Franklin Collective

Recontextualizing the way art is made





What is Franklin Collective?

Franklin Collective, the new collective, is a collaborative entity founded by British artist Mark John Smith and American artist Matt Whitman. Franklin Collective (FC) occupies a third space for these Brooklyn-based artists, a space that can exist as potentiality, a becoming-entity that shifts to the provisional needs of the practice. Franklin is gallery. Franklin is network as sculpture. Franklin is jointly seeing. Franklin is studio practice.

The movement and network of Franklin exists alongside the idea of immanence. The actual focus of the entity is not upon entity at all, but rather on individuations, movements, social vectors, that exist without subject – identity as action. These are phenomena that simply become as needed, as response, precluding ego.

Franklin exists as a critique of the fixation upon ‘the singular’ in so many aspects of contemporary society, and more: in the worlds of contemporary art. Because the ’identity’ of Franklin is, in a sense, a non-identity – or perhaps a multiplicity – issues of accountability, agency, authorship become non-targets for the audience. Rather than focusing on something as simple as ‘the artist’ or ‘the hero’ and all of the singular tropes that the viewer of contemporary art knows so well, the collective is a requirement of troubling the viewer’s location of any actual ‘identity’ in the work. As such, the focus of the work becomes the work itself along with its conceptual underpinnings, rather than a fixation on the authorship and the ‘origin’ of the work.

Capitalism insists upon the individual furthering oneself and appearing to play a productive and contributing role in society – using whatever resources one can acquire on one’s own and using them to the greatest extent possible. As a result, accountability has to remain with the ‘one’.

If you have amassed it, you deserve it.

The collective is without body, it exists as a pool. Resource necessary to further the collective, is sourced as needed and continuously replenishable and re-shapable as the collective is able subsume anything and everything that it touches.

What does Franklin Collective do?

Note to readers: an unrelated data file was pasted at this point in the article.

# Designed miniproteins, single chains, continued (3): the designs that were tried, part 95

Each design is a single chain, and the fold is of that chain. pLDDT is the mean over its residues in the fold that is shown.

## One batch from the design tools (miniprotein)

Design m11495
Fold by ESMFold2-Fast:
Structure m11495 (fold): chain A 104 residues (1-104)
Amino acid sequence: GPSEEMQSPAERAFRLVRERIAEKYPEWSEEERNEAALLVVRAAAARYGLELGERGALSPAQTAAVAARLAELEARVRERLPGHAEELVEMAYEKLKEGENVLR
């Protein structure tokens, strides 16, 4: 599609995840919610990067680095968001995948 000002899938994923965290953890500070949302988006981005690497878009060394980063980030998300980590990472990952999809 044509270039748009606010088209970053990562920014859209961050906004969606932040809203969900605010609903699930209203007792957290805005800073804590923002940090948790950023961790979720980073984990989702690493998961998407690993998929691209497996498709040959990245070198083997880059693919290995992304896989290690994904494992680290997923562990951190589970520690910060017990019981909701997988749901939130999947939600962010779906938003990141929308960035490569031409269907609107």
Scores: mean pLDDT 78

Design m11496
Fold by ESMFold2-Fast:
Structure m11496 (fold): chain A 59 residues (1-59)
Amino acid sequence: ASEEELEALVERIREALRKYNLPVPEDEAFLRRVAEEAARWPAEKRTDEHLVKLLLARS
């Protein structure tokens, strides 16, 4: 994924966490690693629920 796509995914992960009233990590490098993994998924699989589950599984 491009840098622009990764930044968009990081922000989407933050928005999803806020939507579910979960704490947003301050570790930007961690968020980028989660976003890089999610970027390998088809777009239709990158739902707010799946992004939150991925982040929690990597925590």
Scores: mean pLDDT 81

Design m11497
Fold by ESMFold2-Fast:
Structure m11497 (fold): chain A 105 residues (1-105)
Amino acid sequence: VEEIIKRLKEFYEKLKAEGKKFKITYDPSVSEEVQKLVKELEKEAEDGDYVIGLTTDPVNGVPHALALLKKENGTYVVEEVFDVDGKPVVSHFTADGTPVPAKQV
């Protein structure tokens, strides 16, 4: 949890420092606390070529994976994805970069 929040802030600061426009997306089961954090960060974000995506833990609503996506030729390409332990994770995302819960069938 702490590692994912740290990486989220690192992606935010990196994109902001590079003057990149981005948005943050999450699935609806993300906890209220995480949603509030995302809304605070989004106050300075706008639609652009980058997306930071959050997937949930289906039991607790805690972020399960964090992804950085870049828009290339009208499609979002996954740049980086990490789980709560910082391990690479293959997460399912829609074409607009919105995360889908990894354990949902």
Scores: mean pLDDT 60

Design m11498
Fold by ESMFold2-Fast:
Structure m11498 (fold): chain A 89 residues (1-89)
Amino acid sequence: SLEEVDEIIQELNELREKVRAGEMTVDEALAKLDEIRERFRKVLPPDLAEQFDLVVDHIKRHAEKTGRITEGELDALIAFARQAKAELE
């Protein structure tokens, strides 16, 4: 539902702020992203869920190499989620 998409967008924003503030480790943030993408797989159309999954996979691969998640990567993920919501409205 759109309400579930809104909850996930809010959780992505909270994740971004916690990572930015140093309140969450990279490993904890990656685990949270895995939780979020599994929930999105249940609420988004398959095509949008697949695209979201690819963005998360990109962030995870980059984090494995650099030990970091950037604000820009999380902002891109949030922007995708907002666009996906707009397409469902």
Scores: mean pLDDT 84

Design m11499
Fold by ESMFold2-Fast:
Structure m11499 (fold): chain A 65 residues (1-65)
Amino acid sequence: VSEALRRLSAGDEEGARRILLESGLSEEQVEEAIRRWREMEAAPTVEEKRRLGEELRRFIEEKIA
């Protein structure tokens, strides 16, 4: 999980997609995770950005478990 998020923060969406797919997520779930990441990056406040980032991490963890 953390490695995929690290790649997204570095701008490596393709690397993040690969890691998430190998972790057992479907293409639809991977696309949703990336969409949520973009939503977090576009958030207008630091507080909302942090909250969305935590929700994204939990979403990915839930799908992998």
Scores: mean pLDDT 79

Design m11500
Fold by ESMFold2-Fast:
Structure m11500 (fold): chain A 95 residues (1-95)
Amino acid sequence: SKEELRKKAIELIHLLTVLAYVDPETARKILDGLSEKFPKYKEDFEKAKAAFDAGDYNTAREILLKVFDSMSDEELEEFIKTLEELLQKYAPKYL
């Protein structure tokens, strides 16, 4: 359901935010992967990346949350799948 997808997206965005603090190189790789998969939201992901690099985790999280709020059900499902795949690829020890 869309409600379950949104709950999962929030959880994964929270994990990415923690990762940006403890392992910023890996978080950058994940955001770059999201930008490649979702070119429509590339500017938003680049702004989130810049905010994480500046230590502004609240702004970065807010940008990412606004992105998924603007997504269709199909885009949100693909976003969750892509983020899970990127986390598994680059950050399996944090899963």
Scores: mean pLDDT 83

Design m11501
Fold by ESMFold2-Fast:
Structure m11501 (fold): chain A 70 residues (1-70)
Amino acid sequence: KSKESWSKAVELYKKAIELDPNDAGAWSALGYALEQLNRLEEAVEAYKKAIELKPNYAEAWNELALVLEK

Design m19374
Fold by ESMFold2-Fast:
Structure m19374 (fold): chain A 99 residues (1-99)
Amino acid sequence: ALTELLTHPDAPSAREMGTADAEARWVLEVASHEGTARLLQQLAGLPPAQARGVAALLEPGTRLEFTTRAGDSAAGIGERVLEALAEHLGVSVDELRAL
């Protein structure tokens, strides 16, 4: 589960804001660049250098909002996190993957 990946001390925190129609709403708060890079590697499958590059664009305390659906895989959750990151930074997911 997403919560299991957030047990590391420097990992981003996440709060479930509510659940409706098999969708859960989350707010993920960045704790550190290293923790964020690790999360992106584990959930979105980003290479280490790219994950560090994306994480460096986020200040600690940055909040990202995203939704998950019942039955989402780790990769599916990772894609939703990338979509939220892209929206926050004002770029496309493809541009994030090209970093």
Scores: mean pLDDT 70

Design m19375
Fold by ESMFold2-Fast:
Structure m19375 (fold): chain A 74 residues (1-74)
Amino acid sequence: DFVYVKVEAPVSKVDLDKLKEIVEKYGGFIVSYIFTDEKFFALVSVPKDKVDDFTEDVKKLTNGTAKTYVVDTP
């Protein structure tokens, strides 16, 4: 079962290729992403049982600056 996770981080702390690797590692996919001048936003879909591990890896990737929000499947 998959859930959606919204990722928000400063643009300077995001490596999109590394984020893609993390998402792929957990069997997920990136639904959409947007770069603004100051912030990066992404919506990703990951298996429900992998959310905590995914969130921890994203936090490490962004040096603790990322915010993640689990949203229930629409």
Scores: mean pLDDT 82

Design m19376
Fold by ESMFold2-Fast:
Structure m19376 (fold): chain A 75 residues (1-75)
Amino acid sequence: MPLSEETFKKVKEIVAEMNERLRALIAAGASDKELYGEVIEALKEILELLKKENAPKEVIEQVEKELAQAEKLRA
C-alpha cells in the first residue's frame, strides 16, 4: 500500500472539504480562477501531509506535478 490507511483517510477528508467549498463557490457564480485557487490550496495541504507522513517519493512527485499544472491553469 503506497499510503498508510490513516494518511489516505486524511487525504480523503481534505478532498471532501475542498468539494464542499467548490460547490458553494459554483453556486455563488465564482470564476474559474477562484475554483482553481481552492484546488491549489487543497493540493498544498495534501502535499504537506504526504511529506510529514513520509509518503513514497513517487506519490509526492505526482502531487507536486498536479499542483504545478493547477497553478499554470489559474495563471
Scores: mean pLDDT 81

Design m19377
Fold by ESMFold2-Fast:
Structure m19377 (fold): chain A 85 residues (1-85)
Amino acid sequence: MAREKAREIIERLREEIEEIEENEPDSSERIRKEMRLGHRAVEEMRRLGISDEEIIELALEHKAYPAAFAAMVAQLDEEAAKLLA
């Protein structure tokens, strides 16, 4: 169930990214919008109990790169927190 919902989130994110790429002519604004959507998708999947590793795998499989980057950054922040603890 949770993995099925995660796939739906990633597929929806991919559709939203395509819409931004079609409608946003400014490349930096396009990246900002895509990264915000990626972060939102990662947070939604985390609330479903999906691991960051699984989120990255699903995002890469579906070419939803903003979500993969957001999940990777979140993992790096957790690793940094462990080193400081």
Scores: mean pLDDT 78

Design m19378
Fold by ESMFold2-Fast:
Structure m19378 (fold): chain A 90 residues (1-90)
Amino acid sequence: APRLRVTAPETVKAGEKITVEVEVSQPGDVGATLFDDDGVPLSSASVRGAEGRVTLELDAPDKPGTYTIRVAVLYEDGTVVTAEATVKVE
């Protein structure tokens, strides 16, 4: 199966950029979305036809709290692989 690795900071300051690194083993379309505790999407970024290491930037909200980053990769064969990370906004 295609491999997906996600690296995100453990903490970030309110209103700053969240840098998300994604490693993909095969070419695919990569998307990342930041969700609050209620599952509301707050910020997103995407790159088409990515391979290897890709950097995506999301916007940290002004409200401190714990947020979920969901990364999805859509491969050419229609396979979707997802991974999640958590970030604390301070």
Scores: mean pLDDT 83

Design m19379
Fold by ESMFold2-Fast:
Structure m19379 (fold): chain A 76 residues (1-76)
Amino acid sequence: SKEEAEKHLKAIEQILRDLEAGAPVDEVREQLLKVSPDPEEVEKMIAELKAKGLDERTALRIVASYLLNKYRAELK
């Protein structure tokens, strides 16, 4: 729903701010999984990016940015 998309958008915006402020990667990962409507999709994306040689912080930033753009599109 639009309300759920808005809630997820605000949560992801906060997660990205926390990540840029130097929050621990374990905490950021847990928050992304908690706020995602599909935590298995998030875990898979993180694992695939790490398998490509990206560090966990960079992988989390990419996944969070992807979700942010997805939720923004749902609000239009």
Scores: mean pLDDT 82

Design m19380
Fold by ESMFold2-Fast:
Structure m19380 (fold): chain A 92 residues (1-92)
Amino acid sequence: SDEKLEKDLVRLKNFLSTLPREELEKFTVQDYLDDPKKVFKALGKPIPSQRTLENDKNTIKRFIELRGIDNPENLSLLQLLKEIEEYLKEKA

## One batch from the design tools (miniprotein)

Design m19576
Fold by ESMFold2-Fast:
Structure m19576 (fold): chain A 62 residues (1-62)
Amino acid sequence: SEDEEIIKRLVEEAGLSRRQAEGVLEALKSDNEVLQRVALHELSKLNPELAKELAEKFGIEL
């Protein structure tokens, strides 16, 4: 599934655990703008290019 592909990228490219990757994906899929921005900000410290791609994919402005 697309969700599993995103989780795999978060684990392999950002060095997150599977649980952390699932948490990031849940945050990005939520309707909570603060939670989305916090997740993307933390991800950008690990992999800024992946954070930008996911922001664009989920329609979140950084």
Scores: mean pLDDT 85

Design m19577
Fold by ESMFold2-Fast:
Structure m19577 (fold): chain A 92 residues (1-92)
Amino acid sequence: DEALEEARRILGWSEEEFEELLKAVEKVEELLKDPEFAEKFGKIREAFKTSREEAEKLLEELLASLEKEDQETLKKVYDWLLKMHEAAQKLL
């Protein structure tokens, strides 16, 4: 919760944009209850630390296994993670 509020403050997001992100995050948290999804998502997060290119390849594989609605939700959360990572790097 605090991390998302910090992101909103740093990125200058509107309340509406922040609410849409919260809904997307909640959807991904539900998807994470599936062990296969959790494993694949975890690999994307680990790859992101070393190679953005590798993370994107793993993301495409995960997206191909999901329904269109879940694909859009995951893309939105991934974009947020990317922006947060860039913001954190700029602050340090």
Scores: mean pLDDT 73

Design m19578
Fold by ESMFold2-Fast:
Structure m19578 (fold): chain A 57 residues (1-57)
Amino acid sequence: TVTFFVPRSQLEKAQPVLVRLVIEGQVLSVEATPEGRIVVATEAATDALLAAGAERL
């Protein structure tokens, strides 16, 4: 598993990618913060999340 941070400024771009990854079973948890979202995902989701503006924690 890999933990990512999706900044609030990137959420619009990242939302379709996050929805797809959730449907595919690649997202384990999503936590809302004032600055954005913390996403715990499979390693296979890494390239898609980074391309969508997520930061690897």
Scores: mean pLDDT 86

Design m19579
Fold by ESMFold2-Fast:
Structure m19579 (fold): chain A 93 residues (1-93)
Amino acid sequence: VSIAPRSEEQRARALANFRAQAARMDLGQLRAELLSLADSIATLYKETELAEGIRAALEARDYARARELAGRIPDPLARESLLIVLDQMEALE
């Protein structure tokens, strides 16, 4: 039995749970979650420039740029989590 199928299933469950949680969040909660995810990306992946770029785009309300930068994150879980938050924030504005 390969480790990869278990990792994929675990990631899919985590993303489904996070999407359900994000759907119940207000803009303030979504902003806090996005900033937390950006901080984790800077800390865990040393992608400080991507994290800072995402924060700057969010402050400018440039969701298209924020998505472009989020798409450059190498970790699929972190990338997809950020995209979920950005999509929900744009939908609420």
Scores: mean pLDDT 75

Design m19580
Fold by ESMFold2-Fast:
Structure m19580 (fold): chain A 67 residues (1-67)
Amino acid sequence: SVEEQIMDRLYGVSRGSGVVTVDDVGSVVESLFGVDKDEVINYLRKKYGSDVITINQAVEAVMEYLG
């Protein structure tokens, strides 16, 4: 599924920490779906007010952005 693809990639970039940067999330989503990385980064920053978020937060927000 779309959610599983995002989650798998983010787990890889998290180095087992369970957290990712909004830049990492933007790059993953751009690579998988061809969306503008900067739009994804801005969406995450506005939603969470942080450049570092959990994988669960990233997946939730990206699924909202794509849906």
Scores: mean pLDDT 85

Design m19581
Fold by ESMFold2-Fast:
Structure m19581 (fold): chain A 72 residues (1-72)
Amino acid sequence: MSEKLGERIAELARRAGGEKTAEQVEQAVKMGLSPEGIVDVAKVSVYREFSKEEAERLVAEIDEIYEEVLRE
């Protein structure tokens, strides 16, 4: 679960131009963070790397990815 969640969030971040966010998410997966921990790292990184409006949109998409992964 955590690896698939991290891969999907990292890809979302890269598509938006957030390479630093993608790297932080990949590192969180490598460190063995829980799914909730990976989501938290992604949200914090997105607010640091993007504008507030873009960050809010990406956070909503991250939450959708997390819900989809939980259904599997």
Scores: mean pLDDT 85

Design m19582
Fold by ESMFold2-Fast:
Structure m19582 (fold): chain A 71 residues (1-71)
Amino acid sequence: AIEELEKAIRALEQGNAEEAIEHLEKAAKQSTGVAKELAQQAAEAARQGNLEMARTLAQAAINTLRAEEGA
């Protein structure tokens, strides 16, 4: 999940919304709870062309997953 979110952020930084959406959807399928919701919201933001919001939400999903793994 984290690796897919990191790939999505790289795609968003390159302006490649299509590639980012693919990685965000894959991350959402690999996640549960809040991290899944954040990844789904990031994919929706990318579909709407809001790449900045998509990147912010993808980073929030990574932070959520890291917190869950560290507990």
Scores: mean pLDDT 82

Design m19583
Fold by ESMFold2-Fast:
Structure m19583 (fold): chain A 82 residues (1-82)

Franklin creates artworks that exist in the context in which they are synthesized and founded. For instance, in the work created for Instagram titled @frnklncllctv, Franklin Collective has an Instagram account consisting of 8716 followers (as of Jul 26, 2015) and a post reading: “all our follower s are fake” [sic]. This work pulls into question the gravitas of following versus follower and the tension that exists between the two as well as the ‘legitimacy’ of being legitimized by social media followers. As systems of non-relation such as Instagram (existing outside of actual experience) yield consequences bearing weight on actual experience, the obsession with tiering and compartmentalization (particularly in terms that can be monetized) allow for a further corruption of both the actual and non-actual ‘experience’. For instance, the ability to purchase followers and likes on networks such as Instagram. Importantly, the work is not extracted from its form, but proliferates within the locus of its creation. A viewer can follow Franklin Collective, like a post by Franklin Collective, and contribute to precisely the issues and questions that the work involves.

Dreamlinear is another such collaborative piece created by Franklin Collective. Using digitally scanned film footage and found imagery, the work explores the ongoing tension between the assumed non-physicality of the digital image and the inherent materiality of the filmic image (albeit, a ghosted materiality at a time when film must be preserved and even viewed as a digital file). Also present at the heart of this dialectic is the question of aura. Does a lack of materiality exclusively constitute a flatness and non-presence? The latest Boeing aircraft, the Dreamliner: the world’s first all-composite aircraft exemplifies our obsession with reduction of mass and the drive to diminish the burden of physical trace.

“From within Franklin Collective’s third space, vulnerabilities and character flaws usually associated with one’s ego are, in fact, celebrated, dismantled, and reconstructed into something proactive – something to be celebrated. This is exciting. Currently, the world needs more collectives.”

“Franklin Collective employs humor in a way that’s not ironic but as a tool to engage and invoke a response from an audience that is inordinately disenchanted with so aspects of contemporary ilife, at the moment.”

“Within the shroud of the collective, innumerable reconfigurations of identity are possible. At any particular moment, three, thirty, forty some individuals might name themselves as existing as Franklin Collective. We can become a patchwork, an assemblage. As contemporary issues and contemporary needs change and evolve, so to does the network that comprises the collective.”

– Franklin Collective